An interview with Brian McClellan

Brian McClellan

Bee wrangler, homemade jam enthusiast and author of the widely successful flintlock fantasy series, The Powder Mage Trilogy; Brian McClellan has kindly taken the time to speak with Fantasy Book Review for the sites How Stories Connect Us section.

A big thanks to Brian for answering our questions today as I suspect he must be very busy with preparations for the soon to be released final installment of the Powder Mage Trilogy, The Autumn Republic, on the 10th Feb 2015. If you wish to read my review of The Autumn Republic or the other books in the trilogy, click the links below.

Promise of Blood
Recommended, you can almost smell the gunpowder and hear the guillotine falling.

The Crimson Campaign
Another excellent instalment in the trilogy, one that will keep you glued to the pages, pawing for the final book and praying that more will come soon.

The Autumn Republic
The shot is fired and the smoke clears, many stand and scores have fallen, as Gods, Kings and rebellion alter the fate of the land.

I have been a big fan of Brian’s for several years now, there is a quality and commitment to style in Brian’s writing I have enjoyed from the moment I picked up Promise of Blood and which has remained strong in all his subsequent stories. If you haven't read Brian’s work as yet, try now, I cannot see how you will be disappointed.

Brian also has written several Power Mage short stories and having read a few of them myself I would highly recommend one and all.

  • The Face in the Window is set two years before Promise of Blood and chronicles Taniel’s journey during the Fatrasta up rising.
  • The Girl of Hrusch Avenue follows a young Vlora and her first meeting with of Taniel.
  • Hope’s End occurs nineteen years before Promise of Blood and tells the tale of Captain Verundish while on Campaign for General Tamas.
  • Forsworn is the story of Erika ja Leora, a Kez Poweder Mage willing to risk everything to get a young commoner Powder Mage to Adro and freedom.

All of Brian’s titles are available direct from his website, or from the usual online sources.

How Stories Connect Us

Q: Which book do you own that puts a smile on your face and makes you happy just by holding it in your hand?

A: The Princess Bride. It’s just such a fun, fantastic book. Definitely on my top ten list of all time and probably the only book where the movie version is also on my top ten list. If you have only seen the movie or only read the book, you need to immediately stop reading this interview and go read/watch Princess Bride.

Q: Which book or series do you read that makes you feel nostalgic, remembering the period in your life you first read it?

A: The Count of Monte Cristo. I actually have very definite memories of the first time I read the unabridged version. I was maybe in fifth or sixth grade, and it took me over a week straight of doing nothing but reading (trying to really grasp what was going on because, come on, I was twelve). I remember transitioning all over the house from the floor of my room to my parents’ bed to the dining room to the trampoline outside.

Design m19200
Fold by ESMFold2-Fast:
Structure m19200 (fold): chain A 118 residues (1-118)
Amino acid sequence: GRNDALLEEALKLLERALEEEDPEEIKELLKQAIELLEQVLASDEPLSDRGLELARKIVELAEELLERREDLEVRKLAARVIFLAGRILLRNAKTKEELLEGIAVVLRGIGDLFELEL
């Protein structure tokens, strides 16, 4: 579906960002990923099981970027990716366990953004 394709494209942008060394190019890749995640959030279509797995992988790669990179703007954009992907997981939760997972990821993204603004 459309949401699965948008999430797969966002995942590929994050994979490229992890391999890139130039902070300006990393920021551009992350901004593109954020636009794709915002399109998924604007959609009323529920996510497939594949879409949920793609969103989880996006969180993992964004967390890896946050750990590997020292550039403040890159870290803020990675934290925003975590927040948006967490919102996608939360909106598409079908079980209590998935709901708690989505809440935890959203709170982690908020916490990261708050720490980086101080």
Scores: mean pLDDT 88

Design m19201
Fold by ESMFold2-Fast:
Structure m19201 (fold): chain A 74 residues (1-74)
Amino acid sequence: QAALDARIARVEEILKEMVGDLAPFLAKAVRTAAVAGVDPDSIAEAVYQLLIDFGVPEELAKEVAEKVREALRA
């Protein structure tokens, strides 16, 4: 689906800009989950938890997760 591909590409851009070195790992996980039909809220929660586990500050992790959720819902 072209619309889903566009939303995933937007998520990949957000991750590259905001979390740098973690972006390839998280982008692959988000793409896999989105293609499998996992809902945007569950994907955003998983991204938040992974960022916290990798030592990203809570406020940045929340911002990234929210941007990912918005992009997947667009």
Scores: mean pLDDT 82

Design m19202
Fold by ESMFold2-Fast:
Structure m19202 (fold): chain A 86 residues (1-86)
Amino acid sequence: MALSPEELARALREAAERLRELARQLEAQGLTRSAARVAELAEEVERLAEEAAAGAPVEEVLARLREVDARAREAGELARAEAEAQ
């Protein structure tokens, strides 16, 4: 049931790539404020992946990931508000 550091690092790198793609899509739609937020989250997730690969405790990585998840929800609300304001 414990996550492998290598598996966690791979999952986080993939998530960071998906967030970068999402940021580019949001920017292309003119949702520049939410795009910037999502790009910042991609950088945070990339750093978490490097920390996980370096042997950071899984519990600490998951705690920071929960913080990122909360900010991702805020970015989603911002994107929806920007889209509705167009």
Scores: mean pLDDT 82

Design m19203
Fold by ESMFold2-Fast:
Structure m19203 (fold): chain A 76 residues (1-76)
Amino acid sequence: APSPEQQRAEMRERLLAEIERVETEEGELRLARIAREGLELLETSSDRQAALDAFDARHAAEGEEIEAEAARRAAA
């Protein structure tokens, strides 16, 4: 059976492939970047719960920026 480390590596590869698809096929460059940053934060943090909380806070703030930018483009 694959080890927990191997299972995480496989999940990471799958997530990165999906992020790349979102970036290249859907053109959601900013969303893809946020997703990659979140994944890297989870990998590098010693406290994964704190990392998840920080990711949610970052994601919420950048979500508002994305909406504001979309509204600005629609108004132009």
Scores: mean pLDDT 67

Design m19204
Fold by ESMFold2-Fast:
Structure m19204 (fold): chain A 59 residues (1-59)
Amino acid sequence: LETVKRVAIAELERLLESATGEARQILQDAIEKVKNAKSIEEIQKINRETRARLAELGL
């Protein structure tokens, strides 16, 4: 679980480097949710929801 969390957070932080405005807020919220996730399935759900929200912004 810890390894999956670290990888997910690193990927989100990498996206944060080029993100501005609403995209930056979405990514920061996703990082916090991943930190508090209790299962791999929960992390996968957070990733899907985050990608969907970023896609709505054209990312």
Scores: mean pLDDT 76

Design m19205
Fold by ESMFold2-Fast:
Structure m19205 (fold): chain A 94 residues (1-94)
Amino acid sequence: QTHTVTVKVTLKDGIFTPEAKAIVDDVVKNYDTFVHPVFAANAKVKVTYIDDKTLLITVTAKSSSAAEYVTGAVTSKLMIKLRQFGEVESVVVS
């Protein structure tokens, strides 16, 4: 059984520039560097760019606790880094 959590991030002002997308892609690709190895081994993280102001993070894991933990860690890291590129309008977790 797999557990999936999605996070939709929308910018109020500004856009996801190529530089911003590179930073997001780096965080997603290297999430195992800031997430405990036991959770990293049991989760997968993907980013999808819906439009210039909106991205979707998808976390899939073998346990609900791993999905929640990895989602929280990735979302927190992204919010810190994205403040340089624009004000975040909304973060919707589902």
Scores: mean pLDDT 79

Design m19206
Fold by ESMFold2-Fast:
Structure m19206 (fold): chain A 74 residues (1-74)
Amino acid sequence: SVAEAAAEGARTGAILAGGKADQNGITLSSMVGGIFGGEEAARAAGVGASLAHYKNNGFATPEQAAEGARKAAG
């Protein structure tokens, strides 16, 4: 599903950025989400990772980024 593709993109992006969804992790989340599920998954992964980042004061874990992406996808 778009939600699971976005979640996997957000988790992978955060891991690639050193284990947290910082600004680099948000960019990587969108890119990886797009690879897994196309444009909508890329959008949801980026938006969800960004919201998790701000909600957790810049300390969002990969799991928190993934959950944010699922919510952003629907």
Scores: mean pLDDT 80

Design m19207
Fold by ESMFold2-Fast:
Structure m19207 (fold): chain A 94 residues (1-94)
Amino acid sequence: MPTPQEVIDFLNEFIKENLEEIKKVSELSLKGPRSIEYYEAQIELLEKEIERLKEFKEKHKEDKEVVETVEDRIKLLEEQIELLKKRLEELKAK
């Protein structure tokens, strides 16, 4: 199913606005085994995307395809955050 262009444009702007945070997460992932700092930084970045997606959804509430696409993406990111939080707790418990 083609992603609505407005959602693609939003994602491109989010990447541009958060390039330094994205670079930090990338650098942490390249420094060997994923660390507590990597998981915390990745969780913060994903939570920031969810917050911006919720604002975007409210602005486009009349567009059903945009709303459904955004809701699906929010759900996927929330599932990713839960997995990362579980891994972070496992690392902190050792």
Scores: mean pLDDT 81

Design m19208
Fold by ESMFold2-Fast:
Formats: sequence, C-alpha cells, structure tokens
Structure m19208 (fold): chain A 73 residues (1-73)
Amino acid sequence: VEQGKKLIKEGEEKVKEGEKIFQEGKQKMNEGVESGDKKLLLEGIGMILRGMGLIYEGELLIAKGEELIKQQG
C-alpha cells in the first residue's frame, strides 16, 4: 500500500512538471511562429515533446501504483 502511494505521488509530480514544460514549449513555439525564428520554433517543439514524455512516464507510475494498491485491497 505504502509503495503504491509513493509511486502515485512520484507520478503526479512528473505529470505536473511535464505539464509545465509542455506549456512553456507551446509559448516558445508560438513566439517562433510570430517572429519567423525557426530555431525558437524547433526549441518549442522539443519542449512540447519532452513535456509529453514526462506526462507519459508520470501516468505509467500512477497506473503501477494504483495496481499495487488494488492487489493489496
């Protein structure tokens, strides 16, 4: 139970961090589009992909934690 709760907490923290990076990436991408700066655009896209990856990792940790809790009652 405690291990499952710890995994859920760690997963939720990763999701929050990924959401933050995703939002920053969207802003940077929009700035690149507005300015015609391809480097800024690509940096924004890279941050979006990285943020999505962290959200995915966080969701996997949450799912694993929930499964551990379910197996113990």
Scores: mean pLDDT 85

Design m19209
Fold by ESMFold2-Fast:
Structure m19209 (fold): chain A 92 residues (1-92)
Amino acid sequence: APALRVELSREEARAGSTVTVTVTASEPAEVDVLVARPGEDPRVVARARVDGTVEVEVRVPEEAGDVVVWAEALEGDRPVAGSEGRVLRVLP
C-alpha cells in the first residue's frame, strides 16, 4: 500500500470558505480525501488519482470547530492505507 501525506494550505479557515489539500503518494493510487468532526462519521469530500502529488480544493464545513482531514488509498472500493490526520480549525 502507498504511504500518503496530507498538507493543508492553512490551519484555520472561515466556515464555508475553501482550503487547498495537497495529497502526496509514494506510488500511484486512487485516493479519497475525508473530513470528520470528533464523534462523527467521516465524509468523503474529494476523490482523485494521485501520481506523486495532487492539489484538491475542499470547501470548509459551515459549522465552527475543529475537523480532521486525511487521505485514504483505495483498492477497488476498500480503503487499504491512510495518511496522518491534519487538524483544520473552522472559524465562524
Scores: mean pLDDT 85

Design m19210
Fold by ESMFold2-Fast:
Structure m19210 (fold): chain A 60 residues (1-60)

Q: Which book or series do you read that makes your blood pump and your palms sweaty?

A: Any book that really grips me has the potential to do that. When I get really into the action my whole body will start to shake and I’ll sweat and do that thing where I bounce my leg up and down really hard, bothering anyone who may be sitting near me. Honestly, it’s always best if I read in the privacy of my own home.

The last book to do that to me was Robert Jackson Bennett’s City of Stairs.

Q: Which book or series do you think you could implant one of your own characters into? And would you want them to thrive and integrate, or would you want them to burn it all down?

A: To be totally honest, I have a hard time doing that. It’s fun, as a fan, to come up with inter-universe scenarios like who would win or could this character survive and things like that. But it’s different for a creator because things become so much more personal. Of course I’m going to try to figure out how my characters would win/succeed. And most of my characters are much more the “thrive and integrate” types than they are the “burn it all down.” Though I think Field Marshal Tamas would just up and murder everyone he met in Westeros.

Q: Is there a particular author that leaves you thinking: “One day I would like to be able to write just like that?”

A: I’m more of a “one day I’d like to be as successful as him/her.” On the artistic front, I’m fairly self-aware of my strengths and weaknesses (I am less than poetic, but I write very fun stories) and I’m perfectly happy with where I am. I still work to improve both my storytelling abilities and the artistry of my writing but I don’t really covet anyone’s talent.

Then again, ask me this question immediately after I’ve finished a really good book and you may get a totally different answer.

If you want to find out more about Brain and his books you can visit his site at

Brian McClellan books reviewed